Why 2003? The 2 socket 2U became the workhorse compute engine for range of workloads (the web cloud and enterprise virtualization).



This is a form factor that spawned a whole category of compute that was not done before. The same underlying silicon technology (processor and DRAM) enabled the acceleration of adoption of the architectural shift.  I pick 2003 because between 2002 and 2004 number of events that conspired to rise of compute virtualization while simultaneously enabling distributed computing. Here are some notable events.

  1. Throughput (Multi-core/threading) over latency (MHz): AMD announcement of Opteron (x86-64) in 2003 with Intel following suite in Gallatin in 2003, followed by its own 64 bit in 2004. It was the beginning of the multi-core era for x86 (whereas it had dawned on others earlier (sparc & sparc ). DDR2 memory was introduced at the same time.
  2. Compute Virtualization: VMware acquisition by EMC but more importantly major update to ESX version with support for VMotion, Virtual SMP.  VMware drove the definitions of Virtualization into x86 CPUs that showed up 2-3 years later. (VT-x etc)
  3. Distributed Computing: Google sharing ‘GFS’ the paper that was perhaps the motivation for MapReduce and eventually Hadoop

The common theme with these 3 events were, the availability of dual socket multi-core CPU based system (dell-2U) with more than adequate compute and memory at low cost that enabled both server consolidation (Virtualization) and emergence of distributed computing outside of Google (Hadoop for e.g.).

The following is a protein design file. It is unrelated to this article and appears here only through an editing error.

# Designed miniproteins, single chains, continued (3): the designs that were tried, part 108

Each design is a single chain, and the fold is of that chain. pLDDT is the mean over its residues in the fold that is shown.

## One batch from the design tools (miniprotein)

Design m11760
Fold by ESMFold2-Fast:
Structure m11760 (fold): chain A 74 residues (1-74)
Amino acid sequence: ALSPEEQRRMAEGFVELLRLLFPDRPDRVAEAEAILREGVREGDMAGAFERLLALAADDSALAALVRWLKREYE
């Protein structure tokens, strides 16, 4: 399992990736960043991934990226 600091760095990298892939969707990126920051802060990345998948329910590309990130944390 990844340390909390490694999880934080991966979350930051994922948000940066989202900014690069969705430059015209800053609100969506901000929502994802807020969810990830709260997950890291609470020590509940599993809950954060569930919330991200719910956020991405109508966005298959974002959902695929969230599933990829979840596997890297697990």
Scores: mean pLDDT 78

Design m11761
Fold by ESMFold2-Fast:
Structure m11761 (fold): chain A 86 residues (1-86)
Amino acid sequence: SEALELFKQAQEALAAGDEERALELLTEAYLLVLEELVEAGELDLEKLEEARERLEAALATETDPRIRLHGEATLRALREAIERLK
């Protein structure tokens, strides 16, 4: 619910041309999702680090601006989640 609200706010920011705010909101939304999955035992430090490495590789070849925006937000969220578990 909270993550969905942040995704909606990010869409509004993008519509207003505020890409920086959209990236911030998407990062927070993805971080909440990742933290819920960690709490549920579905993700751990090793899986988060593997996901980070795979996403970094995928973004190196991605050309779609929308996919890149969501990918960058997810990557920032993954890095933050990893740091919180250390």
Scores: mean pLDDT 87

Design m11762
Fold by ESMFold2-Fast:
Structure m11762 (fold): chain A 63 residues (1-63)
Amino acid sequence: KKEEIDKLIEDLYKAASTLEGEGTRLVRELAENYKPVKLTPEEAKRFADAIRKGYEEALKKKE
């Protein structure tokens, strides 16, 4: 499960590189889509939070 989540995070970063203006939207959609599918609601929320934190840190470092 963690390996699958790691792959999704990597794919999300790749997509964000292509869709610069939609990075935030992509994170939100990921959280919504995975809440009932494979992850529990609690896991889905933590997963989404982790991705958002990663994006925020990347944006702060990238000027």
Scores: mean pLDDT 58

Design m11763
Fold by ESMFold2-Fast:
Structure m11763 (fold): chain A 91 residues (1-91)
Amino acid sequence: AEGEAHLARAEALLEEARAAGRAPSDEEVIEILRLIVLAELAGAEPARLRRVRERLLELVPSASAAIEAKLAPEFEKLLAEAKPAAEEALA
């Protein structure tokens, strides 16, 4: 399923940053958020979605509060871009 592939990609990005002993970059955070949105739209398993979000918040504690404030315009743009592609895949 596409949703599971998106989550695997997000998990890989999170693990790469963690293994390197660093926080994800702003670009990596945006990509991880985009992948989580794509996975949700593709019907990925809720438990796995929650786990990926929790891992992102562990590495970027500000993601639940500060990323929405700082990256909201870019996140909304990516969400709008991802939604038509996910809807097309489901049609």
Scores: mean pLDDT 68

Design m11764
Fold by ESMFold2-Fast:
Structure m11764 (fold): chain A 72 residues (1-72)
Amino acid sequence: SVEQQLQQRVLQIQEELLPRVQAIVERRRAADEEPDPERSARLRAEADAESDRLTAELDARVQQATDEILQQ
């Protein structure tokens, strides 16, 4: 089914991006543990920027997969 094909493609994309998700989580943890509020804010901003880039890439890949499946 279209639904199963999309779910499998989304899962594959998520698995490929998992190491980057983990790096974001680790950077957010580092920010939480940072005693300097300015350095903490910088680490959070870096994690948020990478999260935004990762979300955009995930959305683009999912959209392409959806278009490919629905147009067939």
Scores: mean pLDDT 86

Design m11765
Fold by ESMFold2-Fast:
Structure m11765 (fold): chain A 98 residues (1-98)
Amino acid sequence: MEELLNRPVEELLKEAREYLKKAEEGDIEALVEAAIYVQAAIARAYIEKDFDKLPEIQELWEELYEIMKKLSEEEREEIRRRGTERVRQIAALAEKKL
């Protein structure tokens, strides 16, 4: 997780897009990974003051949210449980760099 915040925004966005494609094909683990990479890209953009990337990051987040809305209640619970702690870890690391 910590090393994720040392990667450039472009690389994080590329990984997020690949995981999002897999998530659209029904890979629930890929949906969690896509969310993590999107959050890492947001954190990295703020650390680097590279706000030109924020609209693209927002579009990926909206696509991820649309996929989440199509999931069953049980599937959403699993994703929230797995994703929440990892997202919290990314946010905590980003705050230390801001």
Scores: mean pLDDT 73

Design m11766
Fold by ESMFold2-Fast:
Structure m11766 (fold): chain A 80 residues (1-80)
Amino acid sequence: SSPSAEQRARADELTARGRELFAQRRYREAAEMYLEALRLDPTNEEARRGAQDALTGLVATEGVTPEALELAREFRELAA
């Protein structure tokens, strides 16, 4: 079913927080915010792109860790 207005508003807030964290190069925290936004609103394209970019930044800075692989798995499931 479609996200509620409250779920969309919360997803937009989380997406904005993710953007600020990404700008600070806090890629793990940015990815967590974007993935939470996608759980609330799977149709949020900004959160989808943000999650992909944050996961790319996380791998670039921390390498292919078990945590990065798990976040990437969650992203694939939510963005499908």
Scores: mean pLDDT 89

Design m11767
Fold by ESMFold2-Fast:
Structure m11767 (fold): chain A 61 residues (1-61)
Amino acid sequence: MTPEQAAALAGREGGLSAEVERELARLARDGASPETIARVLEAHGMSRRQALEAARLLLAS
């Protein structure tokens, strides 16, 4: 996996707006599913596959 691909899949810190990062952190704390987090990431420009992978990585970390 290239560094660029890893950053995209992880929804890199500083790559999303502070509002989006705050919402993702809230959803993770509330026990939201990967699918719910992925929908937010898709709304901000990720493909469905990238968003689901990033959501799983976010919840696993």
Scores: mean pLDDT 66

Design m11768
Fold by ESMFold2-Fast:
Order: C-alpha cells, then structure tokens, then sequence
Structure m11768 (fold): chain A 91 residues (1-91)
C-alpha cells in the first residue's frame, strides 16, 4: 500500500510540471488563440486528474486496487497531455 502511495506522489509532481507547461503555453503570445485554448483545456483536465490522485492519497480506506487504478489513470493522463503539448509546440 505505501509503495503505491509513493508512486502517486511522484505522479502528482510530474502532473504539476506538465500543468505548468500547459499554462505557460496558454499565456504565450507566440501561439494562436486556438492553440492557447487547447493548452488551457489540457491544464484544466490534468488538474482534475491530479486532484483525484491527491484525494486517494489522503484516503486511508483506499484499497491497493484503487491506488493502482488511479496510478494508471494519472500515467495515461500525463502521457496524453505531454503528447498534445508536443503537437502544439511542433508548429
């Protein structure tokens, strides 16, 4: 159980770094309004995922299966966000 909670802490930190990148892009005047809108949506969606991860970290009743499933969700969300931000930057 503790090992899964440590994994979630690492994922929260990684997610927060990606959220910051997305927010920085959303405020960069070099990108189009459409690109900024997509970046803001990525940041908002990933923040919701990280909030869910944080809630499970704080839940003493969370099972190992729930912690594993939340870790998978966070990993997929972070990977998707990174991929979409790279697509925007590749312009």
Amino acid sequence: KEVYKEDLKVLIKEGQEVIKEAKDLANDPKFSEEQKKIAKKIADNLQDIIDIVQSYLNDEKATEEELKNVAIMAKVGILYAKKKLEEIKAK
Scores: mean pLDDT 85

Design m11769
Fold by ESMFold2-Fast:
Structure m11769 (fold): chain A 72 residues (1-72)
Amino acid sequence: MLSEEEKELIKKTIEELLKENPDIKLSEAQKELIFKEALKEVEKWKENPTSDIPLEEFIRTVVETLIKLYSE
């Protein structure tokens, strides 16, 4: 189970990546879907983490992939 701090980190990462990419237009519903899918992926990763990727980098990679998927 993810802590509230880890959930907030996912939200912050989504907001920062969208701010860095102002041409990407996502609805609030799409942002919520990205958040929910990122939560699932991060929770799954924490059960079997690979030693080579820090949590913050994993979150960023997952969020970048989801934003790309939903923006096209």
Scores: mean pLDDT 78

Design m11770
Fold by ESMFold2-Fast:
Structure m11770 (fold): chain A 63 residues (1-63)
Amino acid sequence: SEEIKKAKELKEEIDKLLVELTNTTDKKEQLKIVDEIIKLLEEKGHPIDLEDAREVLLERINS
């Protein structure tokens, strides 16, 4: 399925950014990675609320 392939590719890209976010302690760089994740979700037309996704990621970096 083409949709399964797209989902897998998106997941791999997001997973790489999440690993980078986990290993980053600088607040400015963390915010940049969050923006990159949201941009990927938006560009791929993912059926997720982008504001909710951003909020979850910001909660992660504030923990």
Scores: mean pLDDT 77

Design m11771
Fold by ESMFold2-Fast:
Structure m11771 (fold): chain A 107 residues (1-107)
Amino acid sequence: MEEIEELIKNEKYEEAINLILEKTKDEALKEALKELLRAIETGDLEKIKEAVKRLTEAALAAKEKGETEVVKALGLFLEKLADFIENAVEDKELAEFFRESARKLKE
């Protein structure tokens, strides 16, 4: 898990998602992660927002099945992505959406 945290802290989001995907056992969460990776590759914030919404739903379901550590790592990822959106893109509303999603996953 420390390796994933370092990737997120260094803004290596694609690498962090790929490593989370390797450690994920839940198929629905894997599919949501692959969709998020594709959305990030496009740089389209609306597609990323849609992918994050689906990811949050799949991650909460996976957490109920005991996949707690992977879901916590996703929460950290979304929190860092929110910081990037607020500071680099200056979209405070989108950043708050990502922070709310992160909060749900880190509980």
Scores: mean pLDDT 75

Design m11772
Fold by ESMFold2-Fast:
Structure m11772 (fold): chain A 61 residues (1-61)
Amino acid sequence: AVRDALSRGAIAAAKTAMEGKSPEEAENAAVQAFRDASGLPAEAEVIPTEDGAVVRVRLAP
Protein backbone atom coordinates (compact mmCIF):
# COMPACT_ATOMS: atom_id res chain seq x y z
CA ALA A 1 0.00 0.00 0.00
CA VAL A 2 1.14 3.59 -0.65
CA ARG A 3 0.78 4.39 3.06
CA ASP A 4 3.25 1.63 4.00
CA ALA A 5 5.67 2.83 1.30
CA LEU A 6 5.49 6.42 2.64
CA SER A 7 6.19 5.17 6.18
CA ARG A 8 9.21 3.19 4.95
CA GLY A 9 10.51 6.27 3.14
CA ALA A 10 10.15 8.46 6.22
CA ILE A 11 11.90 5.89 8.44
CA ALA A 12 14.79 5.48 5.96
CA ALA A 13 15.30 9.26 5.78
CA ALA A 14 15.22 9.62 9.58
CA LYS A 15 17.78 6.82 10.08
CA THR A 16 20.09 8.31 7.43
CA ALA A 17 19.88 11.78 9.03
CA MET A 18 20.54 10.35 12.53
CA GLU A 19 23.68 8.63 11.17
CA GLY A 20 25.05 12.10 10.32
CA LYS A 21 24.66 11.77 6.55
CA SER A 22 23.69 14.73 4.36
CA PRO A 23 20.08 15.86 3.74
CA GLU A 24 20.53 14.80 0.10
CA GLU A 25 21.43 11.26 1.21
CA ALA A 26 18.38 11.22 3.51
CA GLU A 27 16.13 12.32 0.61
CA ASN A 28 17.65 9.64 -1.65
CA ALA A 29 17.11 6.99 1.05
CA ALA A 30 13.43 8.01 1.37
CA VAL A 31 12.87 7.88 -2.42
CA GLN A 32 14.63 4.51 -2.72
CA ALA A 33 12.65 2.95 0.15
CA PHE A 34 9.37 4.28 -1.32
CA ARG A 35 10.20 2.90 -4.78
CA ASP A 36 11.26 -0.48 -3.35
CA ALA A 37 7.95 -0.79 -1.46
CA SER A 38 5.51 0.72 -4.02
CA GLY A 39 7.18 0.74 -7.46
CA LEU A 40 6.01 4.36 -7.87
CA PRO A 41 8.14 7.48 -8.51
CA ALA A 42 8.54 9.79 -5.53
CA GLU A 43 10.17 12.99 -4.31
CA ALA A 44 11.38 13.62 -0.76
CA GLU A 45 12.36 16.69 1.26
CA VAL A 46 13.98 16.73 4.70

2017 = 2003 for storage. The emergence of 2U 24 Drive NVMe storage


  1. Storage throughput: Emergence of NVMe as the performant flash/storage interface with potential cost cross over SSD and more importantly delivering high throughput much like multi-core/multi-socket CPUs for compute. With each drive sustaining 2-3GB/s, a commodity storage platform can deliver 30-40 0GB/s. This is timely with the emergence of RoCE and 100Gb Ethernet (4x100Gb)
  2. Emergence of 16 TB flash drives (3D-NAND) and cost of NAND is at the cusp of dramatic cost decrease with capacity increase.
  3. Distributed System: The emergence of variety of robust distributed data stores (some call it software defined storage) solutions – mostly from emerging startups (see  below).

Once again thanks to underlying silicon technology (3D NAND in this case and NVMe), throughput, capacity and cost reach a perfect storm that will enable a whole range of new categories for storage.  The value shifts to the software as it did then with VMware. Time is ripe for ‘VMware’ of storage to emerge.

The emergence of  Top Of the Rack Storage (TORS), much like TOR emerged with the transition to commodity 2 socket rack mount systems, will enable a whole new class of systems to be deployed. For e.g. its now possible to go ‘diskless’ in each server and with the advent of NVMoF coupled to a TB 2U box, its very likely that most cloud scale infrastructure could be built with compute that has just CPU and memory and all storage consolidated to this TORS within the rack.



Shirjeet Mukherjee of Cumulus networks makes a good analogy and similar observation for networking (see trident ). He asks..

  • Which OS will unlock the networking innovations and thinking like Linux vendors like RedHat, SuSE, and TurboLinux did for compute applications? ….

A corollary question is who will emerge to be the ‘VMware’ for storage and what are the key attributes. The who is likely to be a company that was founded a few years back much like Google and VMware were founded a few years before the 2003 moment. The key attributes are truly distributed data management system that is drive, node, rack, DC failure tolerant, continuous availability, expose file, block, object and emerging data access methods (KV, tables, streams, queues etc).

Looking back – 1998 was an interesting year. That was the year VMware and Google were founded. Co-incidently In 1998, I led the team that enabled Sun to deliver the lowest cost ($1K) workstation and server running Unix that was faster than Intel CPUs while at the same time Sun announced the E10K at $1M apiece. Little did I know then 5 years later, the seeds of the shift was sown in 1998.